Tuesday, August 12, 2014

Is Ancestry.com Getting Into the Health Business?

The following is a guest post by Angie Bush, my partner in The DNA Detectives:

Today, I received in my email inbox a questionnaire from Ancestry.com asking about my thoughts in using my family tree to study family health history. I recently wrote an article that touched on the use of genealogical data in conjunction with genetic studies for the APG Quarterly. In this article, I talked about how the Utah Population database was started as the result of a joint collaboration between the LDS Church and scientists at the University of Utah. This database is unique in that it links detailed family history information with genetic data to allow scientists to study the inheritance of many diseases. Many significant genetic discoveries have been made as a result of this database, including the famous (or infamous) BRCA1 and 2 genes. It is a significant resource for those interested in studying the inheritance of genetic disease. More about the Utah Population Database and the role of genealogical information can be found here: http://learn.genetics.utah.edu/content/science/utah/

Just as in genealogical research, DNA is of little value without a paper trail. Significant value and power lies in combining detailed family health histories with genetic data. In my opinion, 23andMe has missed a significant opportunity to link family histories with genetic data and make ground-breaking discoveries. From this survey, it appears that Ancestry.com/AncestryDNA recognizes the value of this information and that they may be considering getting into the business of supplying their customers with heath related information the way 23andMe did prior to November 2013. It would appear that they are constructing a database very similar to the Utah Population Database with SNP data generated from the Illumina Chip they currently use.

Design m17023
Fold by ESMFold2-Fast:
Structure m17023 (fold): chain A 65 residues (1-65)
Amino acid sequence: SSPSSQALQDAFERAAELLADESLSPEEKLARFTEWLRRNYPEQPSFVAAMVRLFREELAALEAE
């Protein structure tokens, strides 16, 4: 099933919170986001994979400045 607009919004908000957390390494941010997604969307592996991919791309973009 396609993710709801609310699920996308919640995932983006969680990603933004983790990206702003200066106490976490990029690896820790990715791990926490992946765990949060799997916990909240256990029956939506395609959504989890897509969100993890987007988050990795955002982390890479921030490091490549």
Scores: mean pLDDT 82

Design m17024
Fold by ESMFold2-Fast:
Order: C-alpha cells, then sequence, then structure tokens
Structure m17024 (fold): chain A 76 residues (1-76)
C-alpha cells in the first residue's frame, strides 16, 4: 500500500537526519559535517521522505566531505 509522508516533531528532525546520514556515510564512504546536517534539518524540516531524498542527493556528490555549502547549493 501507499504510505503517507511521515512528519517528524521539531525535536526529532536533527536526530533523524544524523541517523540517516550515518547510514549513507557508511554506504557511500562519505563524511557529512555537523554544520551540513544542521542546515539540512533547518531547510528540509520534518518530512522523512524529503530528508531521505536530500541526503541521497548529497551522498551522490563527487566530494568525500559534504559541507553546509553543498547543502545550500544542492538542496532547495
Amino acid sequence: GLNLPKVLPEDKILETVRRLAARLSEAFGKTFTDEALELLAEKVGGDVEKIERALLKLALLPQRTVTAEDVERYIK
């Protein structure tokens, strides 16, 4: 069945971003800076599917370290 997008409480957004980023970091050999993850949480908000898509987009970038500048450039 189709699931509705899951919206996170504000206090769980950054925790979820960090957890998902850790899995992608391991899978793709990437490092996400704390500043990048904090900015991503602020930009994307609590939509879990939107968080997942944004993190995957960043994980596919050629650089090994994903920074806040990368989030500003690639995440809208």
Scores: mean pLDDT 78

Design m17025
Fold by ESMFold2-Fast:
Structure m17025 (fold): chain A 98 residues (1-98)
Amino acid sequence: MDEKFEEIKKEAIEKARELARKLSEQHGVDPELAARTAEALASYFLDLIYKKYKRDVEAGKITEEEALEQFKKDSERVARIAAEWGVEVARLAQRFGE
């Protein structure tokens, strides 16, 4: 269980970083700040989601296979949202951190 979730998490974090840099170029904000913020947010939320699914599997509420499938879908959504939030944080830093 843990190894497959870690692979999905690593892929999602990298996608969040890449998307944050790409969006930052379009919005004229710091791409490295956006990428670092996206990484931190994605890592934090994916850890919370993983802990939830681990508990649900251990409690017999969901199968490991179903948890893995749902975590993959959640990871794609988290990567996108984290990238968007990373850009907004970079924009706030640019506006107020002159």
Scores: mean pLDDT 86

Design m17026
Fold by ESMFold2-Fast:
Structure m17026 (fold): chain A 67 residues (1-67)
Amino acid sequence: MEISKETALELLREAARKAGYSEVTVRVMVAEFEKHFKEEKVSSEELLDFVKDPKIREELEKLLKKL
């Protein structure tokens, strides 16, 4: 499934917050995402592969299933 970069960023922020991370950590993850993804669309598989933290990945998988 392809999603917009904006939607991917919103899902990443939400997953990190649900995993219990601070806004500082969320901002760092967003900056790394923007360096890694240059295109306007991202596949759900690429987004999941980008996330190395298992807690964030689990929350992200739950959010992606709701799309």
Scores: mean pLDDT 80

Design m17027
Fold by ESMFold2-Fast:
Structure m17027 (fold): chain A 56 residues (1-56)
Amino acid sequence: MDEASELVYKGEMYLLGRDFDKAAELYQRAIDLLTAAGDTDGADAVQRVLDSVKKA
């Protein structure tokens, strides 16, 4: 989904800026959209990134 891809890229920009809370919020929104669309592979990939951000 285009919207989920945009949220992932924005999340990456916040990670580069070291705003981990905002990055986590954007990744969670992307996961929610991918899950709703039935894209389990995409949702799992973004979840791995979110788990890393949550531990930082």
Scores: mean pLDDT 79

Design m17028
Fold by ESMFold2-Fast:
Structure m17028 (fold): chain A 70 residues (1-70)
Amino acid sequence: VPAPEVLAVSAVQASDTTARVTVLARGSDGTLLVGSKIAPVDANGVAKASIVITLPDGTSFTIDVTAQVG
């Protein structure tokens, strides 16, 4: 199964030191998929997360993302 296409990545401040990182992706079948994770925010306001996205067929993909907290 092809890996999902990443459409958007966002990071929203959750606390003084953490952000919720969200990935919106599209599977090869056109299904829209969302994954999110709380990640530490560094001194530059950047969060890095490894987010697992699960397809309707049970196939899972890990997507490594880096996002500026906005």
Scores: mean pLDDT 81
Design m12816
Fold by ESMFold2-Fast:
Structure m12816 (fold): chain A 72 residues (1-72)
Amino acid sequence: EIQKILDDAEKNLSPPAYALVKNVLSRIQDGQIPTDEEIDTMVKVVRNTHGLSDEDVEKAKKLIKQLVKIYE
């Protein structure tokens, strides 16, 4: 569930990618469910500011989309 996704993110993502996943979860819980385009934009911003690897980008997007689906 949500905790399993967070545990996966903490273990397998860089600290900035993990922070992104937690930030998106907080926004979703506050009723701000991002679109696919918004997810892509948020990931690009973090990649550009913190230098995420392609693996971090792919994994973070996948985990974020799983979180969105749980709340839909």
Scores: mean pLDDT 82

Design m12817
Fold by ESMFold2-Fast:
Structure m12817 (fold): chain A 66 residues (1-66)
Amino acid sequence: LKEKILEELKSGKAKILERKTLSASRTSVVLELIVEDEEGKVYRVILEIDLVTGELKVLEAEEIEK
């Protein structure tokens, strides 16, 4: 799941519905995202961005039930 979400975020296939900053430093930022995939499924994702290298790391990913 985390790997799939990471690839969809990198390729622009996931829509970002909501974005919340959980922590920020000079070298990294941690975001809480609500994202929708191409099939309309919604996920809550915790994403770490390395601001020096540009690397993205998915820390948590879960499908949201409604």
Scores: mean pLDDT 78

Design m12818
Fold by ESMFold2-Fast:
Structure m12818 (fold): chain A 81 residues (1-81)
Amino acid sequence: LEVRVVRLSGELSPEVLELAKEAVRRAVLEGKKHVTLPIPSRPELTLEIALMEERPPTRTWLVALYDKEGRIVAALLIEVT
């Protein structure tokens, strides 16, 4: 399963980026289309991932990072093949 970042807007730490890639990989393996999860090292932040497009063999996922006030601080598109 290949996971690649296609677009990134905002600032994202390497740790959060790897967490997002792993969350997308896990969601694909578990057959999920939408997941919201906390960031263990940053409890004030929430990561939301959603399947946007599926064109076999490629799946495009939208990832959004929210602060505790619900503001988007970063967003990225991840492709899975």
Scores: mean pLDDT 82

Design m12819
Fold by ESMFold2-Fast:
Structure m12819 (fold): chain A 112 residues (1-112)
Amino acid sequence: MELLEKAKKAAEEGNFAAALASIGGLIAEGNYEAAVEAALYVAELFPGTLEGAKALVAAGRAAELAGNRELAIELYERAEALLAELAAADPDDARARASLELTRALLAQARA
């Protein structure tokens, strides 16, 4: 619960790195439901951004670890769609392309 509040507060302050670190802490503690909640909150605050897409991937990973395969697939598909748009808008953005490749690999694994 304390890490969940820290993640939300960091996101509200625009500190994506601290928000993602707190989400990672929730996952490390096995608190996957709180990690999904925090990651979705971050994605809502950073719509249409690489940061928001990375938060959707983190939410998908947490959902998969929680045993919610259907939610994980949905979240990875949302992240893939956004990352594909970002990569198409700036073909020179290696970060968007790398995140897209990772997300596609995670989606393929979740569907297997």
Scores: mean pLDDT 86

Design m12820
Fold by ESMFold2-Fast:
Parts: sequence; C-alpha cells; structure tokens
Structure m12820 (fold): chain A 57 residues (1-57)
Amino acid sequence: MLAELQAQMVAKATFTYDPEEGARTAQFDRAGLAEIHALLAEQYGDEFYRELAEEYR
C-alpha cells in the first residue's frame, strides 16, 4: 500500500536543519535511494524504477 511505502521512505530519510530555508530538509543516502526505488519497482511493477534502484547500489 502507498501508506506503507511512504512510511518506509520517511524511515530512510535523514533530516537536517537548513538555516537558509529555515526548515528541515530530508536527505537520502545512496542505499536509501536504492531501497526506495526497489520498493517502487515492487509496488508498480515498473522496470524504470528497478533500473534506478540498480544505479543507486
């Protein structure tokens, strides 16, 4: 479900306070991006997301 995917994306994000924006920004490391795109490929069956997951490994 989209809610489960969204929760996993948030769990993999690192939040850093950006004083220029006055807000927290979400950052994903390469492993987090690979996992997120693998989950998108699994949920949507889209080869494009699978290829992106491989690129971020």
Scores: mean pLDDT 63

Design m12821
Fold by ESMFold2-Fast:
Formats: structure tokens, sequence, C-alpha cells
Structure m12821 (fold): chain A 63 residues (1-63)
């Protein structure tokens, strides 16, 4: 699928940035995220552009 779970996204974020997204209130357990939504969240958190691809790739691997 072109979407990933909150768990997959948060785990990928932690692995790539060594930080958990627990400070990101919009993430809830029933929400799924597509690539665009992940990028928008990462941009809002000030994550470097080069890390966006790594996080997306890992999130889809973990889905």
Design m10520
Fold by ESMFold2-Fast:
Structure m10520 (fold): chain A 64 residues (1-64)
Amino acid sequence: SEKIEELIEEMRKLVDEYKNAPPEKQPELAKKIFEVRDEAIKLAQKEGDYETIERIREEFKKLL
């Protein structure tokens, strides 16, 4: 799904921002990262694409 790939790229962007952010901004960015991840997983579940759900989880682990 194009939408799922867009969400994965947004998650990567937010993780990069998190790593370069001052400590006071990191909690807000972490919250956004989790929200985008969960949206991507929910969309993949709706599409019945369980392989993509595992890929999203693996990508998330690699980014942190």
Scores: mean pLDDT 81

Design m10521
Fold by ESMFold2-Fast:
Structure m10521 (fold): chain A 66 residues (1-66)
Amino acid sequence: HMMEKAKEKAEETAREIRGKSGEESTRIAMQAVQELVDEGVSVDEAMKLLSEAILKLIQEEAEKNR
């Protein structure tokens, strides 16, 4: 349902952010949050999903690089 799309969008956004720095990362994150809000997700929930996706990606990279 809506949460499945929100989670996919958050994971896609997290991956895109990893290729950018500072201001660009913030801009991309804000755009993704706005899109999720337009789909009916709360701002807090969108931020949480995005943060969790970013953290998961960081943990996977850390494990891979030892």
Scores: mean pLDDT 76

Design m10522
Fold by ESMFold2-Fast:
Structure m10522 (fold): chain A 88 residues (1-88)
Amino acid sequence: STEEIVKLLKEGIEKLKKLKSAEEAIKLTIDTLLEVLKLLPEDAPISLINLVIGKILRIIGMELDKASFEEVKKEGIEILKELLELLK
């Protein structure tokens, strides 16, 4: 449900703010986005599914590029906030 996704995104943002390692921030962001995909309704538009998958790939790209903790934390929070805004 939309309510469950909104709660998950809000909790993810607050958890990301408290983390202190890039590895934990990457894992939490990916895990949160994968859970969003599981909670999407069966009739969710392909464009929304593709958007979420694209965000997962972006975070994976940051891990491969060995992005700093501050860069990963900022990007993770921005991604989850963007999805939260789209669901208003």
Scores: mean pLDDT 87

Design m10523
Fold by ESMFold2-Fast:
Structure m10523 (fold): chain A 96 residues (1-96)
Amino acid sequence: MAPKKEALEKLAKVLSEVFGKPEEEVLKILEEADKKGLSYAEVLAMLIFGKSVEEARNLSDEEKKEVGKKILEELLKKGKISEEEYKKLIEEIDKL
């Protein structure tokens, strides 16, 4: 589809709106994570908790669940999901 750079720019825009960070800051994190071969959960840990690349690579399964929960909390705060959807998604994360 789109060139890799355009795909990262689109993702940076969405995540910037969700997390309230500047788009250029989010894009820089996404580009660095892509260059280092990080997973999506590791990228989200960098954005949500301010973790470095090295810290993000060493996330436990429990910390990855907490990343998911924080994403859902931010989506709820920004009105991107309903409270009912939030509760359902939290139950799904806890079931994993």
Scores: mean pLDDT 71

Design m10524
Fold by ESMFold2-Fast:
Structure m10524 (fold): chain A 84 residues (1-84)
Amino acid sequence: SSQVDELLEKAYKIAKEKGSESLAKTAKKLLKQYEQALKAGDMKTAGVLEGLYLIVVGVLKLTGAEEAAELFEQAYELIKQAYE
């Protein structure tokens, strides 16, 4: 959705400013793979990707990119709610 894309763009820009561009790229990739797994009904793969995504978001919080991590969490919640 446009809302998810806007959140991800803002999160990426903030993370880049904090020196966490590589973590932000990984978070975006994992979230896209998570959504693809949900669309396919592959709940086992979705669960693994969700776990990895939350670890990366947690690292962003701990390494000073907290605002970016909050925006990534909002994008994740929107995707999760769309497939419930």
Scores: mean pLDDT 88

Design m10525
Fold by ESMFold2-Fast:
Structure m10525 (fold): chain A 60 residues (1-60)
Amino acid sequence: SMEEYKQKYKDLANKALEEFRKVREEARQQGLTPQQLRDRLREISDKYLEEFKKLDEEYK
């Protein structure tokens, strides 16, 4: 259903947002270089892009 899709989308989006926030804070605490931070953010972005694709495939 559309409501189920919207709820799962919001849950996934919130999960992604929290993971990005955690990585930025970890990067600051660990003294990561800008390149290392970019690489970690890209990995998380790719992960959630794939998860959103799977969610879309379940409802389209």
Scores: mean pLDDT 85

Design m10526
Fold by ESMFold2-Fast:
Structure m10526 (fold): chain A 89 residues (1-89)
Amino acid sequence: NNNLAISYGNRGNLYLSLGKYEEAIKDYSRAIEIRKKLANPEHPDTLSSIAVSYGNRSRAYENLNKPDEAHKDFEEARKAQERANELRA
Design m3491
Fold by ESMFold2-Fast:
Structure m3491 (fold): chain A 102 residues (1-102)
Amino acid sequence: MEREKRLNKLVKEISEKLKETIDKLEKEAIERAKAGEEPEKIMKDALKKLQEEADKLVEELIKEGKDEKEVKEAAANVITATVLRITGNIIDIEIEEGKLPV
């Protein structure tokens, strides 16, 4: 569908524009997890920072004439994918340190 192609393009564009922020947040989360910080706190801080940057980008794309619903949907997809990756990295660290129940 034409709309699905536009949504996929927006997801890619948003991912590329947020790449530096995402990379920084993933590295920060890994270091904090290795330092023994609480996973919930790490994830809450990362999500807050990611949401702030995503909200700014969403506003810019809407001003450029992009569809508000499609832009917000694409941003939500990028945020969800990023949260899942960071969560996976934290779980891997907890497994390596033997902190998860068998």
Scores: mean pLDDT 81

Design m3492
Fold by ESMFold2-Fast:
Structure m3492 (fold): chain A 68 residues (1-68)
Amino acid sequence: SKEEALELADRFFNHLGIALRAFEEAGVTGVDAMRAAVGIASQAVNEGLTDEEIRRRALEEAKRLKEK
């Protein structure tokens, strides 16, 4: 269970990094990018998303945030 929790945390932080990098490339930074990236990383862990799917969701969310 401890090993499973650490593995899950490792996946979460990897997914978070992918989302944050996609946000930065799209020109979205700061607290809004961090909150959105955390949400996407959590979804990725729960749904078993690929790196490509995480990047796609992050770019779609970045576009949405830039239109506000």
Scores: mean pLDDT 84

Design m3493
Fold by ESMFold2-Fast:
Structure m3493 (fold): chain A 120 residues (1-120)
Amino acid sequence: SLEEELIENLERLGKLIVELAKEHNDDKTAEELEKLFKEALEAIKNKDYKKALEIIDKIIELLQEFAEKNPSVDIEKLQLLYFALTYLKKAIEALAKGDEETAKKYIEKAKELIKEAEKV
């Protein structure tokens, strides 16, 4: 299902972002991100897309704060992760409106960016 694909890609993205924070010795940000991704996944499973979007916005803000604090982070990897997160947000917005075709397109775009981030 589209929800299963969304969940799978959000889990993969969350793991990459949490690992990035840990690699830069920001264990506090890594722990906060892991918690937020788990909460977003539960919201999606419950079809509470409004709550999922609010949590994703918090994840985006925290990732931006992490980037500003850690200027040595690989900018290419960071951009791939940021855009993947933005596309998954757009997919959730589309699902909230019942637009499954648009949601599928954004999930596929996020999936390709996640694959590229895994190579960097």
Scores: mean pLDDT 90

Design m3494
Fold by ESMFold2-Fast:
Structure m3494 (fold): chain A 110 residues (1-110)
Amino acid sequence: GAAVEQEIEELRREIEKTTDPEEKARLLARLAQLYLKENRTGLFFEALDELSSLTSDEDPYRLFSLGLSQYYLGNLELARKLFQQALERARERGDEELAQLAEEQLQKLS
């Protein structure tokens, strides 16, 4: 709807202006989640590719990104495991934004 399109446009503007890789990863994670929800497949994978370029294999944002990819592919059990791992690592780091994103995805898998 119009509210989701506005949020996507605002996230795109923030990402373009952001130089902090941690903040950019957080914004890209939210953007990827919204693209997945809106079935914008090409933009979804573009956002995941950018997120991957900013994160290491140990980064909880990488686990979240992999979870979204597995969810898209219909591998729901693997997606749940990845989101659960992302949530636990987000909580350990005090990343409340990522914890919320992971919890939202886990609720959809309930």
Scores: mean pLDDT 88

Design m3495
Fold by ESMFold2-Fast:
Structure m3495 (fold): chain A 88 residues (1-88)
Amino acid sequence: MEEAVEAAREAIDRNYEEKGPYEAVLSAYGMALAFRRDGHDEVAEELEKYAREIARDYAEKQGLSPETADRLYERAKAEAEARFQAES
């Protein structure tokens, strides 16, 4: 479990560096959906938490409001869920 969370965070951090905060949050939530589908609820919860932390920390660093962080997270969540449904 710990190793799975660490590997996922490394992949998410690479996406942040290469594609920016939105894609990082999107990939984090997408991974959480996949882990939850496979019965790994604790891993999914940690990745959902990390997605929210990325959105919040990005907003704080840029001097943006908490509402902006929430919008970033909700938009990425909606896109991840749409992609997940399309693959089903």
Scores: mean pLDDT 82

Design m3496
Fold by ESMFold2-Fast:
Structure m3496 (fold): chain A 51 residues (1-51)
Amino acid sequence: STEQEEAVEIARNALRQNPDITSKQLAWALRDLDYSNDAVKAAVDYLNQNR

I have a few questions about this:
  • Will AncestryDNA now be subject to the same FDA guidelines that are currently prohibiting health information from 23andMe, and if so, will Ancestry join the effort with 23andMe to allow this type of information to be provided to consumers? 
  • Or, will they ride 23andMe's coat-tails into the health side of the personal genomics market? Will Ancestry re-sell this data to large pharmaceutical companies?
  • How can we participate in this research, and should we as customers be participating?

There are many other questions I could ask, and in the end, I do believe that health care needs a serious overhaul and the revolution that Anne Wojcicki started with 23andMe cannot be stopped now. I believe one of the best ways to revolutionize health care is to understand what our individual genetic code is telling us about future disease risk, how to manage that risk and prevent disease if possible. It appears from the questions on the Ancestry survey, that they recognize the power of this information as well, and that they plan to move into the space currently occupied only by 23andMe.

 Screen shots of the email and survey follow:

Thanks to Angie for sharing this update and important information with my readers!


  1. Sounds like another case of "Just because they promise something now, doesn't mean it will be valid next week." (Not meant specifically for Ancestry.)

  2. Hi CeCe I've been working in the pharmaceutical research industry for almost 20 years now and I've never heard of anyone using the Utah population/DNA study in their research. Is it being used in gene therapy research?

    1. The homepage for the UPDB says that they are currently sponsoring over 100 research projects.